In her court filing, Choe, the federal prosecutor, avoided mentioning details about Epstein’s offenses but delved deeply into those of Hernandez.
She said Hernandez had fled Spain after being sentenced to six years in 2009 for an immigration fraud conviction in that country. The following year, Hernandez began operating an escort service out of an Extended Stay Hotel in Fort Lauderdale, raking in more than $220,000 from the prostitution business, called “International Playmates,” over the next five years.
Hernandez, who carried a firearm on the job, advertised on a popular escort website, Backpage.com. His prostitutes were mostly from Spain and other foreign countries.
“While most of the women who worked for Hernandez were adults, during the investigation, law enforcement identified at least three females who were minors when Hernandez recruited and employed them,” Choe wrote, urging Judge Cooke to deny the defendant’s dismissal motion.
Hernandez’s brother, Eduardo, who later joined his business, was also charged in the prostitution case but did not raise a similar dismissal argument of “unfair” treatment. The 47-year-old brother plans to change his plea to guilty at a hearing set for early May, according to court records.
DeFabio’s “selective prosecution” argument on behalf of Hernandez is not the first time he has raised this issue in federal court, while citing Epstein’s lenient treatment in contrast. In 2010, he defended a Fort Lauderdale native of Haitian descent charged with recruiting two underage girls for an Internet-based prostitution ring in Broward County.
DeFabio highlighted that Johnny Saintil was a poor black man and Epstein a rich white investor. He argued that Epstein’s offenses were far worse, yet he wasn’t charged by the U.S. attorney’s office like his client.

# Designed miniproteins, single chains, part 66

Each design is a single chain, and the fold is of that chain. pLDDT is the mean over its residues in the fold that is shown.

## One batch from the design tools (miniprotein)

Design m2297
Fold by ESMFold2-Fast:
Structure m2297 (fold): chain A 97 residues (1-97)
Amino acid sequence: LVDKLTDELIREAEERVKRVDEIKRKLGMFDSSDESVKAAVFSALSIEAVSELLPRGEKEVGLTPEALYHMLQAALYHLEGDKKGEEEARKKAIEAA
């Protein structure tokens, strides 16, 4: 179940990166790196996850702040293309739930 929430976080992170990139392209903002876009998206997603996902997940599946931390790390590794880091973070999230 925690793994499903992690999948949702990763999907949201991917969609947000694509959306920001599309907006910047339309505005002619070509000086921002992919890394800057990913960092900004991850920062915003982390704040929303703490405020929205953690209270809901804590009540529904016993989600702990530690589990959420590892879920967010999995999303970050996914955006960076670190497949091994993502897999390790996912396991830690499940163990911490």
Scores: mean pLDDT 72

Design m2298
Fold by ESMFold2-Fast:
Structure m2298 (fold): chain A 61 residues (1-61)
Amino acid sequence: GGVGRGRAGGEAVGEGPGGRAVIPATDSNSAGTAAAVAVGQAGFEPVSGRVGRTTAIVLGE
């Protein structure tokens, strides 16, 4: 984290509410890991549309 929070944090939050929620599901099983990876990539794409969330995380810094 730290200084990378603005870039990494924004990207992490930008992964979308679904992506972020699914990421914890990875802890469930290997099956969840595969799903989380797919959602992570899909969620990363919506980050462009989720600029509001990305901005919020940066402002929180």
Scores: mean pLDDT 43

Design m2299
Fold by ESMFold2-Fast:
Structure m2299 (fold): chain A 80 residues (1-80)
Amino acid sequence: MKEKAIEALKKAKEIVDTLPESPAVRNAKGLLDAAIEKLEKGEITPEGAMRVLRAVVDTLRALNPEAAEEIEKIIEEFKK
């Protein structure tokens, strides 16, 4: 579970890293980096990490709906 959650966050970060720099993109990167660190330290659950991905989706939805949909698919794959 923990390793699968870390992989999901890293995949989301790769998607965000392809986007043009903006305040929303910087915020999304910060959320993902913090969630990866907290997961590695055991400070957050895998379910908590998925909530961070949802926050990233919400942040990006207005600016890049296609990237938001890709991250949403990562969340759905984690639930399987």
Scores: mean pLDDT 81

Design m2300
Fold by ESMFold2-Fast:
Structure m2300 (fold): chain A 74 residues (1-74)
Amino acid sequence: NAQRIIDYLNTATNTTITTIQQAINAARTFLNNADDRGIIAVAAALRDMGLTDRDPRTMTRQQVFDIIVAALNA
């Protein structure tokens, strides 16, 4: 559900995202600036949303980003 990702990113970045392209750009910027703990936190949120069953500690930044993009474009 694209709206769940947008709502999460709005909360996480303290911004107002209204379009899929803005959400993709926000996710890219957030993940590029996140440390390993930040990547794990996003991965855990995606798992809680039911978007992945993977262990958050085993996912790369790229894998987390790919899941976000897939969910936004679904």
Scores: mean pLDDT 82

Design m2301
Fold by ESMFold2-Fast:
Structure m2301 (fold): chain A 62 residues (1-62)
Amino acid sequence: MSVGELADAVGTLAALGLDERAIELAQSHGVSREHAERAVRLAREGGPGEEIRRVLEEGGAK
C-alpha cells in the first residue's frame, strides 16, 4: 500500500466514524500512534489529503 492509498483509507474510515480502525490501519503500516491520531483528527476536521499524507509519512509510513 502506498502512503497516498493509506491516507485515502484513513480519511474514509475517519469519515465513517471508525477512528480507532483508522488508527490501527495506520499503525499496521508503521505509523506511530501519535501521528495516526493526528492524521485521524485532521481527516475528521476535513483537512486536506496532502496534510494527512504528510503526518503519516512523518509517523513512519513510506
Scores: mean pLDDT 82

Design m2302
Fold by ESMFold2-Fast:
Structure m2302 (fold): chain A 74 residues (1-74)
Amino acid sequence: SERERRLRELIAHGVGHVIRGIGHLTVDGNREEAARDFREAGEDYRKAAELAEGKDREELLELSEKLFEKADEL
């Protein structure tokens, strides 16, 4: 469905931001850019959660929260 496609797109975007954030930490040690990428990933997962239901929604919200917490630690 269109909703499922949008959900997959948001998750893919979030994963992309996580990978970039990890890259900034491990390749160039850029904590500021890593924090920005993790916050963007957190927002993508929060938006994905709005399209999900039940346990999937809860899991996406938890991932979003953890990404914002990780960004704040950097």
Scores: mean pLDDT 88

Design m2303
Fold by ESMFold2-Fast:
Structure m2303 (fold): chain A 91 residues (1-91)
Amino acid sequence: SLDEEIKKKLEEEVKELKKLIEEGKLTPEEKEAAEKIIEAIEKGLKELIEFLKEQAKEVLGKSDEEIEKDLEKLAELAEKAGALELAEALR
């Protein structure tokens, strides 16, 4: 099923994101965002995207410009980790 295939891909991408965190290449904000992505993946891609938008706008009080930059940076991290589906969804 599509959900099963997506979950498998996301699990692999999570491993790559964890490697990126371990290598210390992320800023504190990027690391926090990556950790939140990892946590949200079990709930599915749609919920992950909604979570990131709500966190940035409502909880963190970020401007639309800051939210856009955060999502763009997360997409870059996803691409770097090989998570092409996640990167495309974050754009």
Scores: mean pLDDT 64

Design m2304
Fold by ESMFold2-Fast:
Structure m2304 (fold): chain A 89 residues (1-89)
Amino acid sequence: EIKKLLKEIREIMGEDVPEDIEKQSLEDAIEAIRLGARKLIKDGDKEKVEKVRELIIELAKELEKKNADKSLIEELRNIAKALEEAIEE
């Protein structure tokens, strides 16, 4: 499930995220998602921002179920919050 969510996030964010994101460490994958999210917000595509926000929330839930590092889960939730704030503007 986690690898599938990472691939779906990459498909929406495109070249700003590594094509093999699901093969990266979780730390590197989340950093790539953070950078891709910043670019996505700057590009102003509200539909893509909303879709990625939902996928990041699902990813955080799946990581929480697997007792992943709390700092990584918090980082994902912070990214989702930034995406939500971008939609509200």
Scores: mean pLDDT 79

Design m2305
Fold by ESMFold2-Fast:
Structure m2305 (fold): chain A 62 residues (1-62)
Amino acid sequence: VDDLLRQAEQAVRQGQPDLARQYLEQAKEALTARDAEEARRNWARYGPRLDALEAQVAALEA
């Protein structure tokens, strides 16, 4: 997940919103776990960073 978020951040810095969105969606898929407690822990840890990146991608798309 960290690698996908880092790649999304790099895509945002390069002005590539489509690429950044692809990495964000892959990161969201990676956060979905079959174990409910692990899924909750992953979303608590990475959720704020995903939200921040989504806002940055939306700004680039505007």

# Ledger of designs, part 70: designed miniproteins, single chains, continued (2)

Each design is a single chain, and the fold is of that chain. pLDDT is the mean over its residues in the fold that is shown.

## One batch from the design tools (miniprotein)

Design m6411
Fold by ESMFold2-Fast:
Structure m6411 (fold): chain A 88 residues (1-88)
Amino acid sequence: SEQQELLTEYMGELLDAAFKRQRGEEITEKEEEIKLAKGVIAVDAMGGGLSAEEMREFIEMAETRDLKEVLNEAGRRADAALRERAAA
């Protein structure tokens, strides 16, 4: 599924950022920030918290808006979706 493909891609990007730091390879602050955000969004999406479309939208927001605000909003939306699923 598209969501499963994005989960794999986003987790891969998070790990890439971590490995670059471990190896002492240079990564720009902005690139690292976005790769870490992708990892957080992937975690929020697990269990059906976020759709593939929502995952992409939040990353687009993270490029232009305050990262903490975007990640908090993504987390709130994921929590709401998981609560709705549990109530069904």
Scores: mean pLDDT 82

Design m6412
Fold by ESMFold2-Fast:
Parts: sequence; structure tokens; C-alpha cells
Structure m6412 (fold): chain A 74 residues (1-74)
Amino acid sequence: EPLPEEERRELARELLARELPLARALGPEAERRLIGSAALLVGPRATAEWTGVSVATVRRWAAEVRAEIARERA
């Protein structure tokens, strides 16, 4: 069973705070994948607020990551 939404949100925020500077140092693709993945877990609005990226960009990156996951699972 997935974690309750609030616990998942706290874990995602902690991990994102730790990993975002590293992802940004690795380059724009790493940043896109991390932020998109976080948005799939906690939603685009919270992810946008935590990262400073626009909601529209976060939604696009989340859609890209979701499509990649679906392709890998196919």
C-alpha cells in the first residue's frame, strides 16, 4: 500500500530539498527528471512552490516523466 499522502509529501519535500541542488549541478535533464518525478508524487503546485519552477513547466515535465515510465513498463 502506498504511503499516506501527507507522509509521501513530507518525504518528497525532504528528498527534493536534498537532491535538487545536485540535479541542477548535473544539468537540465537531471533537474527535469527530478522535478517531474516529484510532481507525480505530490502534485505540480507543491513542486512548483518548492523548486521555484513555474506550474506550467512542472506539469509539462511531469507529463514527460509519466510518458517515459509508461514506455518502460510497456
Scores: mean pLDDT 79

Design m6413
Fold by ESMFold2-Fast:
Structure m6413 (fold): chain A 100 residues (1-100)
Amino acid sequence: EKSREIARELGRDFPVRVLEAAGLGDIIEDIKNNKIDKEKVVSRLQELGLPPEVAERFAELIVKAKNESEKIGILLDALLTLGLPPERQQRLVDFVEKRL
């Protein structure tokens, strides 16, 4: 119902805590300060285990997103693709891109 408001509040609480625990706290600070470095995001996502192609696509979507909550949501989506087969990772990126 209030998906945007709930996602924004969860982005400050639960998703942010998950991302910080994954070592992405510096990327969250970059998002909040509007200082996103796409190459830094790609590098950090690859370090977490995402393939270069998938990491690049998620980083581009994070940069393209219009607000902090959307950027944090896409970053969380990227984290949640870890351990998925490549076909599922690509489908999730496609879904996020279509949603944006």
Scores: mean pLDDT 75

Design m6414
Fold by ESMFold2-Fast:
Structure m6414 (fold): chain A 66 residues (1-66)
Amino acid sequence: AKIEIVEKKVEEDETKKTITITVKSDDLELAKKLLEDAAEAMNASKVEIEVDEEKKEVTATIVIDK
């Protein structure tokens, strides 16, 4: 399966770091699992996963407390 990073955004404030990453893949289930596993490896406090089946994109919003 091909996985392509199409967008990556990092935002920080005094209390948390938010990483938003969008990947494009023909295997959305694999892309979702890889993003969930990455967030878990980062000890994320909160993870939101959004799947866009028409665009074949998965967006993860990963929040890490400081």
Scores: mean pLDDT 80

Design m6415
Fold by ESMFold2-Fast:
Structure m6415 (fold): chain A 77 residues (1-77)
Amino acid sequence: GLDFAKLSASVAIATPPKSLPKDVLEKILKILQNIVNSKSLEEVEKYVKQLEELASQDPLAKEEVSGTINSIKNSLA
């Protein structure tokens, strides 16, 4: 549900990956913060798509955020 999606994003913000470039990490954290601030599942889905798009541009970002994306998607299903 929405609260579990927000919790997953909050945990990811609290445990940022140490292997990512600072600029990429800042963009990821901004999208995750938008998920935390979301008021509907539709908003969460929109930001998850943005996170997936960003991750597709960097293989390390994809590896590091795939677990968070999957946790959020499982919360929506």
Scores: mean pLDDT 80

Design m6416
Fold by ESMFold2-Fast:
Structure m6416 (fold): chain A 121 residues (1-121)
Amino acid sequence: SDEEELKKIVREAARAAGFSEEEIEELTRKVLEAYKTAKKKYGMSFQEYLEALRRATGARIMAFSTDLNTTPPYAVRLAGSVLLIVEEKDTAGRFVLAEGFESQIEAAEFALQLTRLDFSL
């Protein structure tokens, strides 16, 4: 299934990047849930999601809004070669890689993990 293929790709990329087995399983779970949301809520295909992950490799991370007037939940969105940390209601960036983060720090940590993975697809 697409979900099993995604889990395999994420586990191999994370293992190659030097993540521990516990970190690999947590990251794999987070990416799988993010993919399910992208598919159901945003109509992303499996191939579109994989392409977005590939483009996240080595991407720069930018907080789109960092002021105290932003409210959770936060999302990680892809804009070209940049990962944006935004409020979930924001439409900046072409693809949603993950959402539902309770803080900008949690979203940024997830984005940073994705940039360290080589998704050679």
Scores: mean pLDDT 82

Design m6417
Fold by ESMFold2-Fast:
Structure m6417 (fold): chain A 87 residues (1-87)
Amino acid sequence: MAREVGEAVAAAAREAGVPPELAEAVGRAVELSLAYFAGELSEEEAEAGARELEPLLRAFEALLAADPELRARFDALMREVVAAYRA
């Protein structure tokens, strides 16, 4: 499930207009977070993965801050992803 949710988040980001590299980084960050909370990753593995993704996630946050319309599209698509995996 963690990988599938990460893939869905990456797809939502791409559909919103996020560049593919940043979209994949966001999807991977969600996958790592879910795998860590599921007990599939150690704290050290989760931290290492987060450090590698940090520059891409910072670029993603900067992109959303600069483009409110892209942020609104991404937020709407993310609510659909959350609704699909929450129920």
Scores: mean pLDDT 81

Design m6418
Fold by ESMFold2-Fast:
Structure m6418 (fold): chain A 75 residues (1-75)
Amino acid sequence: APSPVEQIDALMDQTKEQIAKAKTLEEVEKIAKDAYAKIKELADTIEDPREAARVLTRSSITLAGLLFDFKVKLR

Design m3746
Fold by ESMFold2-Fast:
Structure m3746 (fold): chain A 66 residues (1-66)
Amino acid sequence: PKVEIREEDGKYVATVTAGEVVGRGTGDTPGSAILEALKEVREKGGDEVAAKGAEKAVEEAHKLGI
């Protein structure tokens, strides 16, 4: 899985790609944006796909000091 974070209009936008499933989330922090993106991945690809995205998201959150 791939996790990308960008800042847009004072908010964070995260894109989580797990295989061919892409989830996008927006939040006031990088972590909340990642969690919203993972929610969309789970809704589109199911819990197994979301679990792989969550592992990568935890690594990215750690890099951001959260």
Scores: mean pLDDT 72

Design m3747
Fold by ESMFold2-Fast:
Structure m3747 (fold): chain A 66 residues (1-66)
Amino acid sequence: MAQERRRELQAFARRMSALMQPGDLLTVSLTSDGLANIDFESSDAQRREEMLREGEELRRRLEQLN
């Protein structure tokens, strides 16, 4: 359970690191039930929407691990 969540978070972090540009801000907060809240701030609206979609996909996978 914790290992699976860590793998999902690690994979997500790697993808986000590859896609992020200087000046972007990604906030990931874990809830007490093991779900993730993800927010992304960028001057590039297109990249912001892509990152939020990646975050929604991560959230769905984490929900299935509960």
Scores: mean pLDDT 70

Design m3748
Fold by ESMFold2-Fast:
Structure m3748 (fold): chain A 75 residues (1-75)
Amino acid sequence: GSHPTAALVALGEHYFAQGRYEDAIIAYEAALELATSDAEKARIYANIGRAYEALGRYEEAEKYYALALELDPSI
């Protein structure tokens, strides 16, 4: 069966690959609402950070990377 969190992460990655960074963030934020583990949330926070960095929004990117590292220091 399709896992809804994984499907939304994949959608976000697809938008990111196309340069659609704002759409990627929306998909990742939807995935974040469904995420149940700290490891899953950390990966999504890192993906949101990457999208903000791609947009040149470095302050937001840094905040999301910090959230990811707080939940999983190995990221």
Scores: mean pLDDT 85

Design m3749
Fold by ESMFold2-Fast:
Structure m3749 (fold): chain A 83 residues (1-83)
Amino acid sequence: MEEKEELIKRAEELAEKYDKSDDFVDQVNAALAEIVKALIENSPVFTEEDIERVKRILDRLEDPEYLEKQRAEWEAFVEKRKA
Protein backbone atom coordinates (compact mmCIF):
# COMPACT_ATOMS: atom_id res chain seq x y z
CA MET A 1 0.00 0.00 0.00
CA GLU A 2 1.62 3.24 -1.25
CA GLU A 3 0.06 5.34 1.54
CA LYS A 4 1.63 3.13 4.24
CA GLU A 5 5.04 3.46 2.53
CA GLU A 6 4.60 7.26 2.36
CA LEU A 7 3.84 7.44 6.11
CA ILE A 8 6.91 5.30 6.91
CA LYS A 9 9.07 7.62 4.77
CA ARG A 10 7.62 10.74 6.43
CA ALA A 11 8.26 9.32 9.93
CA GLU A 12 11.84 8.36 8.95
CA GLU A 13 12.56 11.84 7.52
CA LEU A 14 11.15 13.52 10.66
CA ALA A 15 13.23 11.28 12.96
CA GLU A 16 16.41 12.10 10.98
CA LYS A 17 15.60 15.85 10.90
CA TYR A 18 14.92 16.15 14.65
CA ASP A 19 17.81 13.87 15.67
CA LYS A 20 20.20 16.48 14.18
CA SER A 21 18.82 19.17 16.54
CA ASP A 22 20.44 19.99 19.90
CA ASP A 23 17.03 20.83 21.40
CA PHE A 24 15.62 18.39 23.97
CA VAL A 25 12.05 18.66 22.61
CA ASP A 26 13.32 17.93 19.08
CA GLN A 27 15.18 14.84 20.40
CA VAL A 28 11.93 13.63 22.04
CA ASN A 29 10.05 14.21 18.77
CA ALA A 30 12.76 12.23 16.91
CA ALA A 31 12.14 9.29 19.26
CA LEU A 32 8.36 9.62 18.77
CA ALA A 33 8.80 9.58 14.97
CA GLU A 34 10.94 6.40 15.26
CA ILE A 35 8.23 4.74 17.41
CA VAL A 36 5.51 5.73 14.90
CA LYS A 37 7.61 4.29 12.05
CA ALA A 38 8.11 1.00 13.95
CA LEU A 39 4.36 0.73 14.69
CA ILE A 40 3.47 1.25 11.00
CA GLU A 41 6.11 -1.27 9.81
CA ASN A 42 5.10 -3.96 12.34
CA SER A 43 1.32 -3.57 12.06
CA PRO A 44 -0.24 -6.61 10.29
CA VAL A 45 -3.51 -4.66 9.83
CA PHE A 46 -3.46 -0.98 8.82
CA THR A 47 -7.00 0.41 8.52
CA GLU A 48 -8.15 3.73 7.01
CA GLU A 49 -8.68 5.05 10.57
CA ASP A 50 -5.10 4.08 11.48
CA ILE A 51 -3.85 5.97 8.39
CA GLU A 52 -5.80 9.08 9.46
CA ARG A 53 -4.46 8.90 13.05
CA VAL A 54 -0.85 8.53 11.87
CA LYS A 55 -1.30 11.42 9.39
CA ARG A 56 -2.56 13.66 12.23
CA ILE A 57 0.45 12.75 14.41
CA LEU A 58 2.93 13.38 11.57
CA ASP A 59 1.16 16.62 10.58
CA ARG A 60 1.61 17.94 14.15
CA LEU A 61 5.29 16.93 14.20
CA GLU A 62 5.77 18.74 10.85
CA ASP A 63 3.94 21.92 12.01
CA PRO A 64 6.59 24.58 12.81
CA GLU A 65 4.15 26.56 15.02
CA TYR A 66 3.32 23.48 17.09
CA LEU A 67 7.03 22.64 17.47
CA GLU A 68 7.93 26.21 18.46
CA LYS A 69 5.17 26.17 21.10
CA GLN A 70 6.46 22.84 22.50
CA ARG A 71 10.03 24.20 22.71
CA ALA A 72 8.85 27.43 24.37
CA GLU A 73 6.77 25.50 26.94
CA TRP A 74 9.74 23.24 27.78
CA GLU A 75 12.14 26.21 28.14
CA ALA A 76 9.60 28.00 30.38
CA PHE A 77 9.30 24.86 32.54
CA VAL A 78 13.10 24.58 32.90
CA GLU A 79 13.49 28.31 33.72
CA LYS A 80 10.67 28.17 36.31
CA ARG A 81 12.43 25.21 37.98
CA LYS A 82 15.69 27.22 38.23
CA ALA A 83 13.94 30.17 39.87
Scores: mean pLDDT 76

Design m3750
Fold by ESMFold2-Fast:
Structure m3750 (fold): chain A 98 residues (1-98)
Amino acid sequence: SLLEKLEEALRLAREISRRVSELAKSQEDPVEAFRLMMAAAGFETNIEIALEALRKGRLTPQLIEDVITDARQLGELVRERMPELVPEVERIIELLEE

“Epstein was both a pimp and a ‘john’ (an individual who pays the prostitutes for sex),” DeFabio wrote in court papers. “He recruited and paid individuals to go out into the public and find minor girls to have sex with him for money.”
But after his motion to dismiss an indictment against Saintil was rejected by U.S. District Judge William Zloch, the defendant pleaded guilty to conspiring with two other men to traffic minors and adults by force. Saintil, then 28, was sentenced to 10 years in prison.
Epstein’s controversial non-prosecution agreement is nearly a decade old, but it still reverberates through the federal court in South Florida.
Fort Lauderdale attorney Bradley Edwards and colleague Paul Cassell sued the U.S. government in 2008, seeking to force South Florida federal prosecutors to break the agreement not to charge Epstein and others with running an alleged sex ring. They filed their case on behalf of a series of alleged Jane Doe victims under the Crime Victims' Rights Act to force the U.S. Department of Justice to prosecute Epstein for sex trafficking of children by fraud, among other offenses.
So far, Edwards and Cassell have kept their case alive, arguing that federal prosecutors made a fatal legal mistake when they cut the secret September 2007 non-prosecution agreement with Epstein and his high-powered lawyers without first notifying the billionaire’s victims — as required by U.S. law. Theirs is a case of first impression.
“The undisputed facts show that for nine months, the government and Epstein conspired to conceal the [non-prosecution agreement] from the victims to prevent them from voicing any objection,” Edwards and Cassell wrote in recent court papers.
Their objective, they argued, was “to avoid the firestorm of controversy that would have arisen if it had become known that the government was immunizing a politically connected billionaire and all of his co-conspirators from prosecution of hundreds of federal sex crimes against minor girls.”